This report covers conditions and observations made between Monday, May 4 and Sunday, May 31, 2015. The next report is scheduled for Monday, June 29, 2015. However, in the event of any significant occurrences prior to that date, this site will be updated as soon as possible.
The first of this report’s photos for the northern region present a shot of the Carmel and an orchard under irrigation after it has received a fertilizer application, both in the Chico area of Butte County. Our final image shows a pumping plant in the Tehama-Colusa Canal moving water towards the orchards along the west side of the region.
Mild conditions dominated the Sacramento Valley’s weather during the period, reducing the orchard’s moisture requirements, allowing the crop to develop relatively stress free. Daily maximum temperatures dropped from the upper 70’s in the period’s opening days to the upper 60’s and lower 70’s by mid-month, as clouds rolled over the region from storm systems spinning over Nevada. Readings then gradually increased, reaching their greatest values in the period’s closing days in the upper 80’s and lower 90’s. Meanwhile, morning lows were widely reported in the upper 40’s to lower 50’s throughout the period. While the weather systems lying east of the region promoted the reduced temperatures, the more northerly location of the Sacramento Valley prevented the more widespread rain received in the San Joaquin Valley from reaching the region’s orchards, with only a few hundredths of an inch reported.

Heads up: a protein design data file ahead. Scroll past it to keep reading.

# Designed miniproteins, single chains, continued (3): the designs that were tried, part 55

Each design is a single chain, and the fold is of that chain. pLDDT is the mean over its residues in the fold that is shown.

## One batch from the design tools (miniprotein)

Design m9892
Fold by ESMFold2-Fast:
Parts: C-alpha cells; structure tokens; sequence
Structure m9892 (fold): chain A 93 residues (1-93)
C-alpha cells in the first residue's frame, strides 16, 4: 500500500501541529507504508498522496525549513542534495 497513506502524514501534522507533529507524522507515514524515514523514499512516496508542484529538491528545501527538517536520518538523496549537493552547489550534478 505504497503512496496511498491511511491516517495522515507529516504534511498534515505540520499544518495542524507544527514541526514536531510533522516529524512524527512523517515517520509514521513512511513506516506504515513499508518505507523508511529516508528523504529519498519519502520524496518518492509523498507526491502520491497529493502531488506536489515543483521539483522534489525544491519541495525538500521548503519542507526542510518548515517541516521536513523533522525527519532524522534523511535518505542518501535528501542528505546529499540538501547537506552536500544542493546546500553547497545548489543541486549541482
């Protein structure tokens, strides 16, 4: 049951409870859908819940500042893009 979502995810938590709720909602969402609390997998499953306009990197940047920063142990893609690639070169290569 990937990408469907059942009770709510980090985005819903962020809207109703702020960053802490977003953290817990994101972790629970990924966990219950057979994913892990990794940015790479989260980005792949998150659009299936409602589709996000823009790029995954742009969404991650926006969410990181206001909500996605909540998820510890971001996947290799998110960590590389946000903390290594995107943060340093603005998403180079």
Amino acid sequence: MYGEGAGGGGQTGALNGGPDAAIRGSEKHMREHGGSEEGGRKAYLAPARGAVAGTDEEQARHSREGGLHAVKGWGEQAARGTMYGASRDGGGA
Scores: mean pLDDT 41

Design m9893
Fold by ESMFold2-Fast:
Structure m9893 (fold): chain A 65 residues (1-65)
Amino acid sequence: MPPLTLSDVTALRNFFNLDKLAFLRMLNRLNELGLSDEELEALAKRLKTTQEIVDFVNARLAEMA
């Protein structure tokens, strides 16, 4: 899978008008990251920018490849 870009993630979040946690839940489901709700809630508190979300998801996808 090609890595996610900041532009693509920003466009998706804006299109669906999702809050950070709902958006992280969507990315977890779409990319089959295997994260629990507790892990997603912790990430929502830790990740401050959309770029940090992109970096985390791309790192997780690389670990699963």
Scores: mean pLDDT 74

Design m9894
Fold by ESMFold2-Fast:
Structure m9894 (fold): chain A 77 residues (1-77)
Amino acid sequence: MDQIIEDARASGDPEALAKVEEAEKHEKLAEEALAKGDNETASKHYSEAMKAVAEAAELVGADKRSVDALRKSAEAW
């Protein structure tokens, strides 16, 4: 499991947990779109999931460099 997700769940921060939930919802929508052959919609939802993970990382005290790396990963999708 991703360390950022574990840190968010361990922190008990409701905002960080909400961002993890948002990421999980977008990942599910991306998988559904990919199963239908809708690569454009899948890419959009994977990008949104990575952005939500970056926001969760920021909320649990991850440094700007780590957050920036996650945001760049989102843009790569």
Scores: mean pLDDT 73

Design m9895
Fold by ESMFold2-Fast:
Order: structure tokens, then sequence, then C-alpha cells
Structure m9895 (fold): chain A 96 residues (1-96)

Observers are reporting that the crop developed nicely during May, benefitting from the mild conditions. Kernels of all varieties are now completely solidified, or nearly so and have reached their maximum weight. Coincident with the mild temperatures, growers were able to scale back irrigations during the period, thus saving water while not impacting the developing nuts. As shown in the accompanying photo, some growers along the west side of the region have been pumping water into the Tehama-Colusa Canal, moving it to other properties they own; in some cases, lifting the water uphill.
Orchards in the region are in generally good condition with little evidence of disease at this time. Growers have been treating to prevent Scab and Rust infections, applications that must be made prior to infection in order to be effective. Some have also begun treatments with preventative miticides, targeted at the most damaging species of spider mites that can promote premature defoliation of the trees.
Growers are also monitoring populations of Navel Orange Worm (NOW) using pheromone traps to attract male moths and egg traps to monitor egg laying by females. Many in the region are speculating on the potential for an early hull split this year, given the apparently advanced stage of development. Some have noted that they were also expecting an earlier than normal timing in the 2014 crop and skipped treatments for NOW in the hopes that an early harvest would reduce losses. For many, that strategy failed, resulting in excessive damage levels in the 2014 crop. Growers and their Pest Control Advisors will be watching crop and insect cycles closely in the coming weeks in an effort to avoid the damage suffered in 2014.